Use this URL to cite or link to this record in EThOS: http://ethos.bl.uk/OrderDetails.do?uin=uk.bl.ethos.663219
Title: Collaborative agency across professional and organisational boundaries in the children's workforce in the UK
Author: Stuart, Karen J.
Awarding Body: Lancaster University
Current Institution: Lancaster University
Date of Award: 2012
Availability of Full Text:
Access through EThOS:
Abstract:
There have been increasing calls for the people in the Children's Workforce (a term that encompasses 2.68 million workers in 60 different professional settings in the UK) to work together better. The demand for collaboration is based on two premises. On the one hand collaboration is seen as a way to ensure better protection of children in response to events such as the tragic death of 'Baby P' On the other, collaboration is a way to maximise the use of increasingly limited public sector resources. This collaboration is unique in that it is all focussed on the well-being of children, it occurs between professionals working over their single disciplinary boundaries and it is forging new practices. Collaboration in the children's workforce in the UK had a particular name, 'integration'. Integration was mandated in the 2004 Children Act. I examined collaboration in the children's workforce in a single Local Authority in order to understand the ways in which people came together to effect change for children across organisational boundaries. The research involved iterative cycles of action research, and my role was developmental. The research proposed a socially constructed and sociocultural model of collaborative agency that accounts for the interplay of structures, agency and professional identity, and the process of empowerment. It offers practical suggestions and tools at a practice level that will allow people at all levels in the children's workforce to understand and advance the ways that they work together.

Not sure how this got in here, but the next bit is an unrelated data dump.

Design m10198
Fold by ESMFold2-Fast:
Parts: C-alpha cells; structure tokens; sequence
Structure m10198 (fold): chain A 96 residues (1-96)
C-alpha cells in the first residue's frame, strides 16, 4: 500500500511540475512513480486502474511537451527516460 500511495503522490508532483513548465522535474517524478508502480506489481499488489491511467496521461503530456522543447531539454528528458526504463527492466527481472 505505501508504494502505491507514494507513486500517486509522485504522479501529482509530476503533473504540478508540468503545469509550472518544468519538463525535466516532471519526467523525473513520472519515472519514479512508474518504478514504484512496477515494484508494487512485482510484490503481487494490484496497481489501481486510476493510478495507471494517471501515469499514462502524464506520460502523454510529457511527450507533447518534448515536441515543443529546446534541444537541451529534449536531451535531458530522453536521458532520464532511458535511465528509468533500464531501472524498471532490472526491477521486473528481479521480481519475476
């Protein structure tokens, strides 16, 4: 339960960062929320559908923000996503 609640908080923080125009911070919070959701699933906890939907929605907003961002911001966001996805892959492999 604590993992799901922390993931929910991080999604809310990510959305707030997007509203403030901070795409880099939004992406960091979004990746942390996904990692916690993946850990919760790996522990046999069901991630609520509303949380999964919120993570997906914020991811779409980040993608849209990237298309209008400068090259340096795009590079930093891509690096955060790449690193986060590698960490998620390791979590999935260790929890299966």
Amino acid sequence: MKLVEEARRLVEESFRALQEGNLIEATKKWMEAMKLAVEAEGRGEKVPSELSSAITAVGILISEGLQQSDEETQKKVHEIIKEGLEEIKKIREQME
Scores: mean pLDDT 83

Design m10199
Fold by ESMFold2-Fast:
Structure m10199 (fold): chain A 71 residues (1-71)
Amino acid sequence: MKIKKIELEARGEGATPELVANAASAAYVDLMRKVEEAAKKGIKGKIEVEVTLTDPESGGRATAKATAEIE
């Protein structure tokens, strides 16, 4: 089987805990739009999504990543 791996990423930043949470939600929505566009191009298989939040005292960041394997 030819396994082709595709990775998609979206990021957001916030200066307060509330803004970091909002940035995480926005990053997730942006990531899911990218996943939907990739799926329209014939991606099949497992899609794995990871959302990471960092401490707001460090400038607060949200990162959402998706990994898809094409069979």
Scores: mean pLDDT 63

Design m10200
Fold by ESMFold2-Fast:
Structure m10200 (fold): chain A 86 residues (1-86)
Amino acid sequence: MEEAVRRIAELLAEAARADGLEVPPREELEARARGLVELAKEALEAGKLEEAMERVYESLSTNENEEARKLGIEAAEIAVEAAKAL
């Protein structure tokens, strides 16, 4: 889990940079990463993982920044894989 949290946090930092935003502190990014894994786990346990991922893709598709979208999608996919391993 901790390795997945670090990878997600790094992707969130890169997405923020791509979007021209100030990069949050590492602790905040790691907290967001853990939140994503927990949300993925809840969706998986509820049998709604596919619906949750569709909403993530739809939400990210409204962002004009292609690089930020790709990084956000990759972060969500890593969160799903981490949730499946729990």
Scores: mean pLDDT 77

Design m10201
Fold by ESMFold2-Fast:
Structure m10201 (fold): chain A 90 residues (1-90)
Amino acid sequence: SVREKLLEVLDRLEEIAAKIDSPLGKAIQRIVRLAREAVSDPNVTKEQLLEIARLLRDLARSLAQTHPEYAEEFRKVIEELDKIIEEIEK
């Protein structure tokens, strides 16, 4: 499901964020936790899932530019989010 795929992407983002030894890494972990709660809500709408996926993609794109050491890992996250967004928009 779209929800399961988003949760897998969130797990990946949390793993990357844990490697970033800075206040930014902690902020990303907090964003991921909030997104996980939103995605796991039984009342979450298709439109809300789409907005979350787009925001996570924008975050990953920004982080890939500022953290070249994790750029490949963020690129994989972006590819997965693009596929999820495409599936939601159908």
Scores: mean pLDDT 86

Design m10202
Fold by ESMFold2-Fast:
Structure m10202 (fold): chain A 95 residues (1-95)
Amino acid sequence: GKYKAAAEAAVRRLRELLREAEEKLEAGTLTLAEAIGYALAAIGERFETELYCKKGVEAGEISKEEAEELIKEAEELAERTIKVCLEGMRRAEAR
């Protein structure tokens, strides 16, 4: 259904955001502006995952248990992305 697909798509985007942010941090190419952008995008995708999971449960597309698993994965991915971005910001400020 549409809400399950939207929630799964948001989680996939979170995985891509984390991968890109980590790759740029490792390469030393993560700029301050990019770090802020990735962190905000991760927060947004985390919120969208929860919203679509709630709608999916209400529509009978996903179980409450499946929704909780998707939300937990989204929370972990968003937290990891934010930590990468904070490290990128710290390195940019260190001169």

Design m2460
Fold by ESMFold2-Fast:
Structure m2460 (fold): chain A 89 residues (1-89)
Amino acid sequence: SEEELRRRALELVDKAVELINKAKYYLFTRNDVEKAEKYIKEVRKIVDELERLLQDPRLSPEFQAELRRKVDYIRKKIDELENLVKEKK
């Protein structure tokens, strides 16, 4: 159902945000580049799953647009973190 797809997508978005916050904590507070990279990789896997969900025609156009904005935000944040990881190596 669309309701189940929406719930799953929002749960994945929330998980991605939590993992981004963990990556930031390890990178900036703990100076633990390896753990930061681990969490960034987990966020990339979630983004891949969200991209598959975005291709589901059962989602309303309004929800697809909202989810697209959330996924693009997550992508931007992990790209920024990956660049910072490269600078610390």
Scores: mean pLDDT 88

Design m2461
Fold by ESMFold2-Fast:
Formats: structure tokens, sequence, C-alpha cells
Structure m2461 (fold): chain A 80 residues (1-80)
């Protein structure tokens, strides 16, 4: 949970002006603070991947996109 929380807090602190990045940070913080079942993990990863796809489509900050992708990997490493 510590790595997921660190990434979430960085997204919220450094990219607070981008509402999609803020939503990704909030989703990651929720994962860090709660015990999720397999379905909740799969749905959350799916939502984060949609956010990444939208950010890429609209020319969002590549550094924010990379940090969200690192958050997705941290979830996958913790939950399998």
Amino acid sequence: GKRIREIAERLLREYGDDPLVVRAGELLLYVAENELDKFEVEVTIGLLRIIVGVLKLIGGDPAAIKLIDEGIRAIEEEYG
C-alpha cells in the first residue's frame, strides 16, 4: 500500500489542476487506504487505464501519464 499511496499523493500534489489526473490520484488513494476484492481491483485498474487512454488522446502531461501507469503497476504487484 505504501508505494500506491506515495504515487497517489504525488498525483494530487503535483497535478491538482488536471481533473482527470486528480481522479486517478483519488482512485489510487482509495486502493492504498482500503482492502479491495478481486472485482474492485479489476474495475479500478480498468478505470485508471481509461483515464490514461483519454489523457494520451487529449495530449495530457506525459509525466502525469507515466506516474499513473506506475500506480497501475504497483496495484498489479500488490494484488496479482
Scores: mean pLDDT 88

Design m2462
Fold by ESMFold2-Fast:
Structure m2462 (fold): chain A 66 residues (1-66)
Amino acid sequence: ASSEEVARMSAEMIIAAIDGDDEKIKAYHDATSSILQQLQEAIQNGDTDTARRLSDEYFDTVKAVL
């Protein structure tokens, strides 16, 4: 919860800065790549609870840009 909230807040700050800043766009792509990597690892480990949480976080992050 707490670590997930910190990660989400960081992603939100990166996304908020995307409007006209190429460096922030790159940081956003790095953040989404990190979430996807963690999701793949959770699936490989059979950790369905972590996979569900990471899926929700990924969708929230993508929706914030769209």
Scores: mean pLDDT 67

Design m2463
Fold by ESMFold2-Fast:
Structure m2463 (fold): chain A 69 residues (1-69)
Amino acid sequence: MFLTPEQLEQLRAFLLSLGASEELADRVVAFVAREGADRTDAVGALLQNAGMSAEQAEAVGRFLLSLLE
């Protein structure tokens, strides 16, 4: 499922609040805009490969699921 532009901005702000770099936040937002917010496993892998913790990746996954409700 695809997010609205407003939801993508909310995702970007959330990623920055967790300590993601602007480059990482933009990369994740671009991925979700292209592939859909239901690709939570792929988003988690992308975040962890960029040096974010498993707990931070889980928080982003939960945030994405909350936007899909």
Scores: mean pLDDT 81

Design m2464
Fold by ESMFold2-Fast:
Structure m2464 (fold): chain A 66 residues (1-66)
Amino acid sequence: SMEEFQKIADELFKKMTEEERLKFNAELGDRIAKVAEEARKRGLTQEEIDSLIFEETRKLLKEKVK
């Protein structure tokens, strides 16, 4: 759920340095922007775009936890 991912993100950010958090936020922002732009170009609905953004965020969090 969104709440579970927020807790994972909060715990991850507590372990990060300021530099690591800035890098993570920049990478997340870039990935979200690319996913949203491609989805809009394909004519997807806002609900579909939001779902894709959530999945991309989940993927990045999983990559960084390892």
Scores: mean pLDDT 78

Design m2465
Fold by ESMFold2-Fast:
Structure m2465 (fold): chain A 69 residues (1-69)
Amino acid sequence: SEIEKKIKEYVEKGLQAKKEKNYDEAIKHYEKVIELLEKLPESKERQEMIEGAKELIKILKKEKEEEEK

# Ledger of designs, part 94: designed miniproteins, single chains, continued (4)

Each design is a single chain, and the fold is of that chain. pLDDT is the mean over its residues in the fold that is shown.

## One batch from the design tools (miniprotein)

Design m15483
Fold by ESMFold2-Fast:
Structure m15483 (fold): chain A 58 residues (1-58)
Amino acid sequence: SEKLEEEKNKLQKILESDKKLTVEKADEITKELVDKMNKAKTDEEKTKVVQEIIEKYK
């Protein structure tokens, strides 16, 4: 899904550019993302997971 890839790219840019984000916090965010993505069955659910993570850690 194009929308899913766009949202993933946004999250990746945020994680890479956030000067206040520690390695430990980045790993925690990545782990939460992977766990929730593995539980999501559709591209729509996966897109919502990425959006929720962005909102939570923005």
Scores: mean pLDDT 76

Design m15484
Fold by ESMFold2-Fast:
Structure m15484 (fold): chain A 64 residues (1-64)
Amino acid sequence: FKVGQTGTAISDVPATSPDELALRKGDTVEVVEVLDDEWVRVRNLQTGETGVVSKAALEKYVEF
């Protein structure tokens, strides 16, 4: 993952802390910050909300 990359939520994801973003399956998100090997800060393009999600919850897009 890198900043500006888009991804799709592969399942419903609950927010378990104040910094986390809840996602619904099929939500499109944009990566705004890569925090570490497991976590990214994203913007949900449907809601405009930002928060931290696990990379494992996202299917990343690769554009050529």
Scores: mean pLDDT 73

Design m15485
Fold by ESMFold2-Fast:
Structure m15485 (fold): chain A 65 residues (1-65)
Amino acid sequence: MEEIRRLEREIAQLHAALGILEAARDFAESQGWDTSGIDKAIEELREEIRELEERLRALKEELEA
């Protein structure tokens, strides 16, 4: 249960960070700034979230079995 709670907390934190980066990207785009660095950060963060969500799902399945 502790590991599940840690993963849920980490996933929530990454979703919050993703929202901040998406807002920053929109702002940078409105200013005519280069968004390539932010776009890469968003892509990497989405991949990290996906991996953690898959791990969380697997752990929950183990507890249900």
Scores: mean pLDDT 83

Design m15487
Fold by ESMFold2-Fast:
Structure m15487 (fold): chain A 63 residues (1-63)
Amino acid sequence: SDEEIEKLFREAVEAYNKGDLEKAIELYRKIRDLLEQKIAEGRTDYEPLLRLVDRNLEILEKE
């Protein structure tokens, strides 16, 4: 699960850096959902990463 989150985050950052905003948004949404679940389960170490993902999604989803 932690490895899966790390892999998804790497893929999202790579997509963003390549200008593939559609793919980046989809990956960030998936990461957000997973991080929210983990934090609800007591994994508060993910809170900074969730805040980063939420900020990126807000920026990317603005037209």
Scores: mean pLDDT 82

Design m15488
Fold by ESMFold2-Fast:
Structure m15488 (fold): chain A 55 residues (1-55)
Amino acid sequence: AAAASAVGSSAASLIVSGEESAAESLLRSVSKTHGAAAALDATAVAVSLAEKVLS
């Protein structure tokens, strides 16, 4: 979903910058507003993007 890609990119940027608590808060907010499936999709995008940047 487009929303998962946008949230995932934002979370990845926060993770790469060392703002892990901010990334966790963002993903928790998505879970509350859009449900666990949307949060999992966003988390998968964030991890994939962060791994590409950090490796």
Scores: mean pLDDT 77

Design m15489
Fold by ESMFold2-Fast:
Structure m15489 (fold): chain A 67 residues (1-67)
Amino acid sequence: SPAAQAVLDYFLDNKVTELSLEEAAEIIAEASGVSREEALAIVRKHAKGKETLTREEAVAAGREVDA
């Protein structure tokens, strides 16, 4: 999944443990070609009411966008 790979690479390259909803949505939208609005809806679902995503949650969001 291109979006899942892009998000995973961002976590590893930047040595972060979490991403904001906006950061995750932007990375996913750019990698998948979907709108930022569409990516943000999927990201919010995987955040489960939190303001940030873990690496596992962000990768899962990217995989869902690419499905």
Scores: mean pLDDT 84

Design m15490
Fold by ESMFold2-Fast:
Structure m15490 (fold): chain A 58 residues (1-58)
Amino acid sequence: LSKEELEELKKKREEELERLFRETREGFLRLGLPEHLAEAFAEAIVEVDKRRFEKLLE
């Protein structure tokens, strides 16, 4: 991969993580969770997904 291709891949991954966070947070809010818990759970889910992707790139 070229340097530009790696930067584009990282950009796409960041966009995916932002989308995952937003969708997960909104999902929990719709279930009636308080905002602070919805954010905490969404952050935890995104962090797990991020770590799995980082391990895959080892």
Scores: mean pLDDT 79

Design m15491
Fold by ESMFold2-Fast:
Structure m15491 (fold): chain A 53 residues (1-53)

Supervisor: Not available Sponsor: Not available
Qualification Name: Thesis (Ph.D.) Qualification Level: Doctoral
EThOS ID: uk.bl.ethos.663219  DOI: Not available
Share: